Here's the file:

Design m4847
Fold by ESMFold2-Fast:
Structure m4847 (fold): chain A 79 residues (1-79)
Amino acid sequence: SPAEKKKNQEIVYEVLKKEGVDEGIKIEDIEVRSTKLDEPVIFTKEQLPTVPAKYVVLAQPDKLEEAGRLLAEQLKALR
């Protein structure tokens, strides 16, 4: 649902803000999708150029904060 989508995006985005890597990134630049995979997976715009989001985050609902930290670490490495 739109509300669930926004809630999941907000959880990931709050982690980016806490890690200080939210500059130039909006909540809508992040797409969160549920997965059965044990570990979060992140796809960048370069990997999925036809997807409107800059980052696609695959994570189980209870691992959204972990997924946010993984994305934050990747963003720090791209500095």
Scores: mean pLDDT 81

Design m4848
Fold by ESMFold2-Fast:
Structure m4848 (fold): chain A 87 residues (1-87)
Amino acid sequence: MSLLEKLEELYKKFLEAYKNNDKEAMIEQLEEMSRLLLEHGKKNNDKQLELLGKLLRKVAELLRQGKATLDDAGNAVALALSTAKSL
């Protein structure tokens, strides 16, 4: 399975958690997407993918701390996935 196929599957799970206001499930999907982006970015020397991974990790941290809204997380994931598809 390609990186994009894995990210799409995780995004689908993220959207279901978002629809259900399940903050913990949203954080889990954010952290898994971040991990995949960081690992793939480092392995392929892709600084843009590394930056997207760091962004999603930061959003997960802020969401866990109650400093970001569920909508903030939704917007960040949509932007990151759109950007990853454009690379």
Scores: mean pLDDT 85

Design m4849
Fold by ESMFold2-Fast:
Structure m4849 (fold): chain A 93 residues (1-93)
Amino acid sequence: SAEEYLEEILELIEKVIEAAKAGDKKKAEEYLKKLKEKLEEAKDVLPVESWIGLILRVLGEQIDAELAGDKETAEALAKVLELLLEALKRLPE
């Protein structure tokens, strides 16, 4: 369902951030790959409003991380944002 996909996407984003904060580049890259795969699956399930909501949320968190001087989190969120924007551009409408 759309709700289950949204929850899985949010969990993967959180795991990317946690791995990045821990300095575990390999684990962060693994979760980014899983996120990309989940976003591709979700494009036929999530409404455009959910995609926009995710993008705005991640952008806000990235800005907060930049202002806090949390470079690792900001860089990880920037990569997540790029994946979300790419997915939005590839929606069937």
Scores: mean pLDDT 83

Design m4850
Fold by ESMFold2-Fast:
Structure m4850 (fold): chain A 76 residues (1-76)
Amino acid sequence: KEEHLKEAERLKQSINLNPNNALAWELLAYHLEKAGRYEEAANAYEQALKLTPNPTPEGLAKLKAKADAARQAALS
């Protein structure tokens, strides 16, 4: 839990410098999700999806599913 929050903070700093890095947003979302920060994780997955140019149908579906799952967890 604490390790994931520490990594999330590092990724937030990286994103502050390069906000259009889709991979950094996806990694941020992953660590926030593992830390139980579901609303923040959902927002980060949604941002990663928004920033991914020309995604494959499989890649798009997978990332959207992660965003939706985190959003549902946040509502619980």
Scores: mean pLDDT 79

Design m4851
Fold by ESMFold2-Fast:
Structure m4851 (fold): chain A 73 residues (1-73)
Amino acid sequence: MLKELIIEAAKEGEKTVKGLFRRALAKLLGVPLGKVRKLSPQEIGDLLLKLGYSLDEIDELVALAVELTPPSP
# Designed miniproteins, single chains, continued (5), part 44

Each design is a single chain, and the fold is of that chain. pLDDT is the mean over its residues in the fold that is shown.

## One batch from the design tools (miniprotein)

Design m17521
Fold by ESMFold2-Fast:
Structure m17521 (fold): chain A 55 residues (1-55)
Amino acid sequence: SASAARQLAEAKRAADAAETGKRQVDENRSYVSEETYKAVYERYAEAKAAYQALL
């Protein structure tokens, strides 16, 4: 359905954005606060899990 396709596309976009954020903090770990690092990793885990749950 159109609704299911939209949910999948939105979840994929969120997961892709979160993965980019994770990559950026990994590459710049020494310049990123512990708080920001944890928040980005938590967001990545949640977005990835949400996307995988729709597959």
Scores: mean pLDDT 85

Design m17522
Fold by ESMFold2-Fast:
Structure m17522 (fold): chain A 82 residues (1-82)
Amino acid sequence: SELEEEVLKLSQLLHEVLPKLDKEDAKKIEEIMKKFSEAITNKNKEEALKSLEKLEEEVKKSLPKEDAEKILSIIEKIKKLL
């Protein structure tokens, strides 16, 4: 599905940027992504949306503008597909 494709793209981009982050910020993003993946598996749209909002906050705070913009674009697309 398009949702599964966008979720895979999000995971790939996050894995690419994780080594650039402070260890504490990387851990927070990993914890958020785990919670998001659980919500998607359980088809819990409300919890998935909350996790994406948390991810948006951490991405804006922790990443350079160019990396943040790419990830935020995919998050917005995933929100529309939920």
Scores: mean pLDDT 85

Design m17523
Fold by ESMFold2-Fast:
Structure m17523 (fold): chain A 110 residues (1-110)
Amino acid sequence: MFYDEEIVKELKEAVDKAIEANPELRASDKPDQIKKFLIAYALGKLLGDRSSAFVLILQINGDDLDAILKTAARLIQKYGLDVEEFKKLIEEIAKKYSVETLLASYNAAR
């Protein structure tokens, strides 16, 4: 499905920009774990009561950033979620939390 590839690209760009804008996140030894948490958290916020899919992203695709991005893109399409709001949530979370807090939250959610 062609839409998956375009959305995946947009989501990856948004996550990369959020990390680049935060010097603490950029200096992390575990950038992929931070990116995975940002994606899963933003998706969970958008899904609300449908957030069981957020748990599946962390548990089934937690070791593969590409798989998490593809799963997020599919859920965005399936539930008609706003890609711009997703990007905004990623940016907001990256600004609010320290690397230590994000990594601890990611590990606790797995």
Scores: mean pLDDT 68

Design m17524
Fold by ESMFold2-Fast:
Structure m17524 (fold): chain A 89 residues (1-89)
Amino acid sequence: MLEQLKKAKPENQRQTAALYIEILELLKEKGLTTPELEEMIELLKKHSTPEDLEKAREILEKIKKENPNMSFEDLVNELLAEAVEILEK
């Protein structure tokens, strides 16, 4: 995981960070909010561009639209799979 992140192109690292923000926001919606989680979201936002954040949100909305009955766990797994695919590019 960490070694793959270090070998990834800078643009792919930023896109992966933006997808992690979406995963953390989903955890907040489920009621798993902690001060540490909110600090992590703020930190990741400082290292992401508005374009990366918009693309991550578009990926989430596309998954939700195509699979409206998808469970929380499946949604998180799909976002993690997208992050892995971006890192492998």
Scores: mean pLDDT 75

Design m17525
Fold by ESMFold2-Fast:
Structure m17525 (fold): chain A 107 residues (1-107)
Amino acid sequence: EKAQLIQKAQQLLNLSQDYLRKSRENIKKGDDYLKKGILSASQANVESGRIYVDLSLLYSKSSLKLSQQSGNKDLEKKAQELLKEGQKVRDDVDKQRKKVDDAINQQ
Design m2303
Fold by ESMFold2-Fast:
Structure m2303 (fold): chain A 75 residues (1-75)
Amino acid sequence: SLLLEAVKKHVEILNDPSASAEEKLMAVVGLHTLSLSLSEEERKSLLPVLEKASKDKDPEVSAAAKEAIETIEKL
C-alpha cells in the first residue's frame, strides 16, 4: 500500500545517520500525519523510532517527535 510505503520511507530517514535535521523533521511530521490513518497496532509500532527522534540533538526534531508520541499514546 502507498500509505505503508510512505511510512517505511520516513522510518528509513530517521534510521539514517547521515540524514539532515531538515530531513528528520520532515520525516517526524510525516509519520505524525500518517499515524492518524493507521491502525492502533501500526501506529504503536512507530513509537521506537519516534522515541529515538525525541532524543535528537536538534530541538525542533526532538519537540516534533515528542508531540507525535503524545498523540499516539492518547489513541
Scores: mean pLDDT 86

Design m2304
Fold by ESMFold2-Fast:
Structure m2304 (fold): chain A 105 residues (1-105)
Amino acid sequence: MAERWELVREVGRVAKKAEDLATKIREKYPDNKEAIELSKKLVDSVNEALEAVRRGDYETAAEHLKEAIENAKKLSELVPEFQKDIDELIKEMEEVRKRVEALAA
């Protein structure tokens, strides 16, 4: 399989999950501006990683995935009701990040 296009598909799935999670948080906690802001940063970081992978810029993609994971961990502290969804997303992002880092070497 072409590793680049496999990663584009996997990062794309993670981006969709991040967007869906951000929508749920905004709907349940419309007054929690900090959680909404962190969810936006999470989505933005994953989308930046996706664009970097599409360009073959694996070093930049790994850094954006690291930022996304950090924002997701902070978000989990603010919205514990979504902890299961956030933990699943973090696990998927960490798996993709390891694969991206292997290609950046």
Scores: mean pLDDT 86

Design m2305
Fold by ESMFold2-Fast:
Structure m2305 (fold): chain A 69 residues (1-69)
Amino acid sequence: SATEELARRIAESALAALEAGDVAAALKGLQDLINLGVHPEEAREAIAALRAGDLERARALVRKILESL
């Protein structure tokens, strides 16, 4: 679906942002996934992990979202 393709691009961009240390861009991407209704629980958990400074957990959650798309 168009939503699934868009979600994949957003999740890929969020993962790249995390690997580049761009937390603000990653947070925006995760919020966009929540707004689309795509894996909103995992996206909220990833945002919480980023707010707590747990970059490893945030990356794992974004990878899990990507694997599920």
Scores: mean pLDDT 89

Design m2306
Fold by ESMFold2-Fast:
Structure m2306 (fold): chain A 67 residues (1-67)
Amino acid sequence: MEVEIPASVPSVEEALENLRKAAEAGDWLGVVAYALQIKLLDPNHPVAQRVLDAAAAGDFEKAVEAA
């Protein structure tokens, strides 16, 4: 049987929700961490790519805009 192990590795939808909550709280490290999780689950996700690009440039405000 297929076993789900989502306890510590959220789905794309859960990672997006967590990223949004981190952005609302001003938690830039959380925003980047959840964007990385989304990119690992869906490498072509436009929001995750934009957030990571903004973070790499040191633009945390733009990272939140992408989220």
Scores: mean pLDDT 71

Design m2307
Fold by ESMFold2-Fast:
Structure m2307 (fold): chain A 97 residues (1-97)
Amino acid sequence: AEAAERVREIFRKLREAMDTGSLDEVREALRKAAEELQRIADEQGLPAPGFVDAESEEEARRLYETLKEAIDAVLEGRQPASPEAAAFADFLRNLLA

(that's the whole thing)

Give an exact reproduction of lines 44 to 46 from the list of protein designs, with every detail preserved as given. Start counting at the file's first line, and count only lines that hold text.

Design m17523
Fold by ESMFold2-Fast:
Structure m17523 (fold): chain A 110 residues (1-110)